Take a look for yourself. Here are the #1 Ad Meter Budweiser Super Bowl commercial “Lost Dog” from 2015, last year’s #28 Super Bowl ad “Don’t Back Down” from 2016, and this year’s 2017 Super Bowl ad “Born The Hard Way.”

Visualize Your Marketing Strategy To Form A Solid Foundation For All Marketing Communication.

Social media actions and even plans can exist on their own, but without having an understanding of the marketing and business behind them, they could be acting in vain. Even communication focused disciplines such as advertising and public relations now acknowledge the need for broader marketing and business knowledge. Incite’s State of Corporate Social Media report of global corporate social media professionals found that 90% say social media is an important part of their marketing strategy and 80% say that social media is an important part of their business strategy.

To help understand how social media fits into the bigger picture of marketing and business I have created a visual template for a basic marketing strategy that emphasizes the consumer perspective. This template can help improve social media efforts by providing an understanding of the larger marketing and business perspective. It can help you speak the language of business.

To be honest most C-Suite executives probably don’t care about followers and engagement rates. To get approval and funding for social strategies you need to translate social media action into broader business goals such as sales, market share, awareness, customer retention, leads, etc. The template can also help create a new marketing plan or help plan the marketing piece for a startup. See below, but also download a free PDF here.visualmarketingstrategytemplate-blankVision/Mission: Why do you exist? To make money is not a sustainable answer for employees or customers. What does the company behind the product/service stand for and where are you headed? Think: solving a greater problem, spreading a bigger message, supporting a cause, community, the environment or being the absolute best at something specific.

Back Story: People buy for rational and emotional reasons that can come from your origin story. Show your human side of starting in a garage, using your last $5, making a childhood dream come true, an event that put the cause on your heart, something you couldn’t get as a customer, happy accident, etc. Even big companies showcase their humble roots.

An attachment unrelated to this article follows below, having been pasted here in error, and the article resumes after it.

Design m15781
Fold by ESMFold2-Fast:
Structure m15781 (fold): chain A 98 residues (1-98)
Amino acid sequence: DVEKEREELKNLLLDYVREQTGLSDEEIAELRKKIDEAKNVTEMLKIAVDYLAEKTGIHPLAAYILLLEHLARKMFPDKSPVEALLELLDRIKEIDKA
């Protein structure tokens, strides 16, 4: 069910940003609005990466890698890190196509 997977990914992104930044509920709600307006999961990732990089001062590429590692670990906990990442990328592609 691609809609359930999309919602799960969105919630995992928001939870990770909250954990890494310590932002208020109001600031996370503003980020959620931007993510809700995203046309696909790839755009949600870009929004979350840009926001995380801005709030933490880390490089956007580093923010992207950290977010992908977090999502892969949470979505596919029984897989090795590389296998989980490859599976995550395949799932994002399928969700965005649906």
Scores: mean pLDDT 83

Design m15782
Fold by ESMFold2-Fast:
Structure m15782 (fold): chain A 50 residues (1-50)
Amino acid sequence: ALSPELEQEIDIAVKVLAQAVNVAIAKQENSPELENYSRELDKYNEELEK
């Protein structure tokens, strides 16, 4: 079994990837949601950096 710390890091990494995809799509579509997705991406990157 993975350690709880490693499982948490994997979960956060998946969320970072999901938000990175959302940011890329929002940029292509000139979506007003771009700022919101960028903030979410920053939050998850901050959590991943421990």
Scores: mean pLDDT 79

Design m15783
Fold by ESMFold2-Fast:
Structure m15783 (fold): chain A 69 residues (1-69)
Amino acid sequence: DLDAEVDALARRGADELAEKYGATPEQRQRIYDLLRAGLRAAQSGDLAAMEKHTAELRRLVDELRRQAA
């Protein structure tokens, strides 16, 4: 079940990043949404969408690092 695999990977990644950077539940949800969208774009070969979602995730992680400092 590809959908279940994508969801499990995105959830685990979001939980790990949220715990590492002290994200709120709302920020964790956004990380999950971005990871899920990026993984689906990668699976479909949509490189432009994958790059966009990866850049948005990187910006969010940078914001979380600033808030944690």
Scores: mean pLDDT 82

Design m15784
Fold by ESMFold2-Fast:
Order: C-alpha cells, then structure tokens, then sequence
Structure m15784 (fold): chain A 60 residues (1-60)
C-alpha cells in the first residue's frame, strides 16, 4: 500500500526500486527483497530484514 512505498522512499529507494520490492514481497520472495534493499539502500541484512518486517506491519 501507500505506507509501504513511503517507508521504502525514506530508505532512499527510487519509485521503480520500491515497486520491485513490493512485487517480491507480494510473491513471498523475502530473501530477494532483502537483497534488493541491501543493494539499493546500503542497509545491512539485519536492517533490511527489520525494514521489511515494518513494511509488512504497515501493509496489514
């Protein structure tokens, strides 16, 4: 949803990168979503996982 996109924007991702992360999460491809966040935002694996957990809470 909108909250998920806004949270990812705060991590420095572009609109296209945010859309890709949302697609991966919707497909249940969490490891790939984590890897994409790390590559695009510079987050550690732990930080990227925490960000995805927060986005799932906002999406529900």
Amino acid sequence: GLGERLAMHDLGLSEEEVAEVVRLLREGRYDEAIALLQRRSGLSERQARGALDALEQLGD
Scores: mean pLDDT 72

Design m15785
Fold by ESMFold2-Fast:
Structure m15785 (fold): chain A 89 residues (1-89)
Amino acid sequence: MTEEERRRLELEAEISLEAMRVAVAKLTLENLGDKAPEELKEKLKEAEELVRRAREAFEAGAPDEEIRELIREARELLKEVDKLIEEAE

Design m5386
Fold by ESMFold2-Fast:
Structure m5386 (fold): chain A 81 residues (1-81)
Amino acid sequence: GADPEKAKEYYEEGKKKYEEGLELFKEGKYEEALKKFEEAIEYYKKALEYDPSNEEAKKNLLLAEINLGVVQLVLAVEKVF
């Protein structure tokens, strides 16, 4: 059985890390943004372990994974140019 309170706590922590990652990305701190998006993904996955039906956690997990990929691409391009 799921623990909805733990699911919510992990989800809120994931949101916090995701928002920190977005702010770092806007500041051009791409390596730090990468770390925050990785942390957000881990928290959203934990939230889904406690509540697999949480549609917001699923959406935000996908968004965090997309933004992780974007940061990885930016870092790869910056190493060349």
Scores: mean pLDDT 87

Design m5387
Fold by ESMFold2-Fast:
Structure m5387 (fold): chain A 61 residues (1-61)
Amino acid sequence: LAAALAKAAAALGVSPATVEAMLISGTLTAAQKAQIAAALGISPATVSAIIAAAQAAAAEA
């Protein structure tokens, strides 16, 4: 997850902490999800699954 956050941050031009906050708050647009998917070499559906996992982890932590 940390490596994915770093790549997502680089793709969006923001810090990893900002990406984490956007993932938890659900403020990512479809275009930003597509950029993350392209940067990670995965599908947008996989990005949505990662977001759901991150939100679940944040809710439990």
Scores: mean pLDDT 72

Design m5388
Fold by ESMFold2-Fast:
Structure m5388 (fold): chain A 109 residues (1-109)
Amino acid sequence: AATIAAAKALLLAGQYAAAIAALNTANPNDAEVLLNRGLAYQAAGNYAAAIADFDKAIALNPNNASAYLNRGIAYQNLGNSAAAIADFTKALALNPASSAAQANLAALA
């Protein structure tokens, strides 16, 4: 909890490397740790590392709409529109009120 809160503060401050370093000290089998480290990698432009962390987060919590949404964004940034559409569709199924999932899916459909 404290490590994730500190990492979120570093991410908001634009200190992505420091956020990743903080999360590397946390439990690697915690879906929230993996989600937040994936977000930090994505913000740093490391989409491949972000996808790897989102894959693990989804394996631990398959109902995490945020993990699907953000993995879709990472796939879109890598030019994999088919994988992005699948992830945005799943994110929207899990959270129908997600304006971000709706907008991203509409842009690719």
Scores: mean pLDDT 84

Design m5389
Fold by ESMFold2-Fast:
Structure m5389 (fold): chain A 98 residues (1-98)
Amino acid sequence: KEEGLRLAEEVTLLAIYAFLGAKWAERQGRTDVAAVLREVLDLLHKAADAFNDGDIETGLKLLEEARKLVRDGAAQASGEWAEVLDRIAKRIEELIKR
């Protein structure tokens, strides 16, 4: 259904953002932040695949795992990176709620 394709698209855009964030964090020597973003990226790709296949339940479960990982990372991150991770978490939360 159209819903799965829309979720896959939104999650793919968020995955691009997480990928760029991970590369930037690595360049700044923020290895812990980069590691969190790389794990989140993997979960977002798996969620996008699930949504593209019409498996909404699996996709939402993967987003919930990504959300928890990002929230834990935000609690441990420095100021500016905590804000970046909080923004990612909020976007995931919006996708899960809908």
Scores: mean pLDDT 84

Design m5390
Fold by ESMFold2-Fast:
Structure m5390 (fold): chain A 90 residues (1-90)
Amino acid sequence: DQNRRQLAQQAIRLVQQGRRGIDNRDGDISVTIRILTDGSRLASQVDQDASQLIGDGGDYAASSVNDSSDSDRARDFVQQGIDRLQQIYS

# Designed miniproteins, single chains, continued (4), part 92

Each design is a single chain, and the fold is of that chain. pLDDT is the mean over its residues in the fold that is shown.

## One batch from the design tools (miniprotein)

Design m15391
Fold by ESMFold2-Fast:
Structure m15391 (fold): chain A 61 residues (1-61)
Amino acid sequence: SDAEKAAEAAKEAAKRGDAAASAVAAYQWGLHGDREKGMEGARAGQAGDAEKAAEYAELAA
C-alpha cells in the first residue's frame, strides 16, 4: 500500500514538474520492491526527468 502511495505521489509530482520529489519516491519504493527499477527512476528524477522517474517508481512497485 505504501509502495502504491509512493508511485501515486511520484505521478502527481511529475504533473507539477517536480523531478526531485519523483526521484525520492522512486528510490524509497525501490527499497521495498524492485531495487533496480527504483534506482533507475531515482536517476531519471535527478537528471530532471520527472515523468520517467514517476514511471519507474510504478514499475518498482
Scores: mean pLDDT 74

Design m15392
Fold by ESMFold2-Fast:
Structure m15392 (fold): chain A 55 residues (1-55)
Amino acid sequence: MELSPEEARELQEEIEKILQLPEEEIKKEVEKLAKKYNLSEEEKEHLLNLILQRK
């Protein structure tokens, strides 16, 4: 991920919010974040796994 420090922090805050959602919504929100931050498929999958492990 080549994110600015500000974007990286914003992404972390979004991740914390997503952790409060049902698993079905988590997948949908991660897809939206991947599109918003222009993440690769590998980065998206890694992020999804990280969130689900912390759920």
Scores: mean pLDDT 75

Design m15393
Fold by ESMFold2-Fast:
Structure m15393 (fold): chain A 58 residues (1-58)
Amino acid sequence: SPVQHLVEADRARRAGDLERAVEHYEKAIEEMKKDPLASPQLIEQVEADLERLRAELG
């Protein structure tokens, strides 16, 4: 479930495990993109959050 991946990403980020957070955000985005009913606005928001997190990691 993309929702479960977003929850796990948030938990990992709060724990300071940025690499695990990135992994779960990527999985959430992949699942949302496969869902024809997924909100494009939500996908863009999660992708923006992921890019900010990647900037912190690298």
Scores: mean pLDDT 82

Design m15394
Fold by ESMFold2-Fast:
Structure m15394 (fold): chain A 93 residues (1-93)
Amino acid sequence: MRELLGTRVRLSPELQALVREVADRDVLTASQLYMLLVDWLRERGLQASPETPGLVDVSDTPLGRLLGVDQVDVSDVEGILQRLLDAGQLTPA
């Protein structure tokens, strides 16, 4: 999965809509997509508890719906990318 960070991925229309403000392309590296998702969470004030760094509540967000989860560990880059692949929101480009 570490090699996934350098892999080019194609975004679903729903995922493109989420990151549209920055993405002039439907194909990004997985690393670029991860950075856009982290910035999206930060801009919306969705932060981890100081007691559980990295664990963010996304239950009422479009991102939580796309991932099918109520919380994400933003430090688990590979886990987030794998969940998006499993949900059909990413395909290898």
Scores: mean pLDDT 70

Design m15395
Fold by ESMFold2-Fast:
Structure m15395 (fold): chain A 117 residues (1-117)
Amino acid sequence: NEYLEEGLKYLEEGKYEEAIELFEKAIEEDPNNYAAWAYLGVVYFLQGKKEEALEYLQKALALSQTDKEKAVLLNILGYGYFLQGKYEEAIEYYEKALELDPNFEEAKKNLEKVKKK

Business Objectives: All marketing action must help support business needs such as sales, average spend, market share, leads, contracts, awareness, customer satisfaction, retention, referrals, volunteers, donations, etc. To do this a marketing plan must start with those specific objectives clearly defined. Make sure they are SMART: Specific (quantified such as XX% or $XX), Measurable (data you can access), Achievable (not too high), Relevant (support vision/mission), Timely (due date like X months or X years).

Products/Services: List product and service offerings, lines and versions. Describe them from the consumer’s perspective turning product/service features into consumer benefits. Look for gaps in product lines and offerings from your company, but also competitors. You may need to return to this section after industry, target market and competitor analysis.

The next section focuses on situation analysis, with important areas such as industry, competitors and target market plus elements of the marketing mix or Four Ps. The important part is converting everything to the consumer’s perspective and summarize by answering the customer centric question in each section.

Industry Overview: Is the industry/category growing or declining? What innovations and trends are important? Are there gaps in offerings? What do consumers care about most? What are their pain points? Threats? Opportunities? Sum this up by answering the question, “What is their unmet need?”

Target Market: Clearly define the group most likely to have this need with demographic (gender, age, income, education), psychographic (attitudes, values, lifestyle) and behavioral (products used, brand loyalty, usage) bases. From this answer the question, “Who needs it the most?”

Key Competitors: Identify several top competitors by market share/sales in same industry and/or by replacement products/services outside the category. What do you offer that is different? With this understanding summarize, “Why should they pick you?”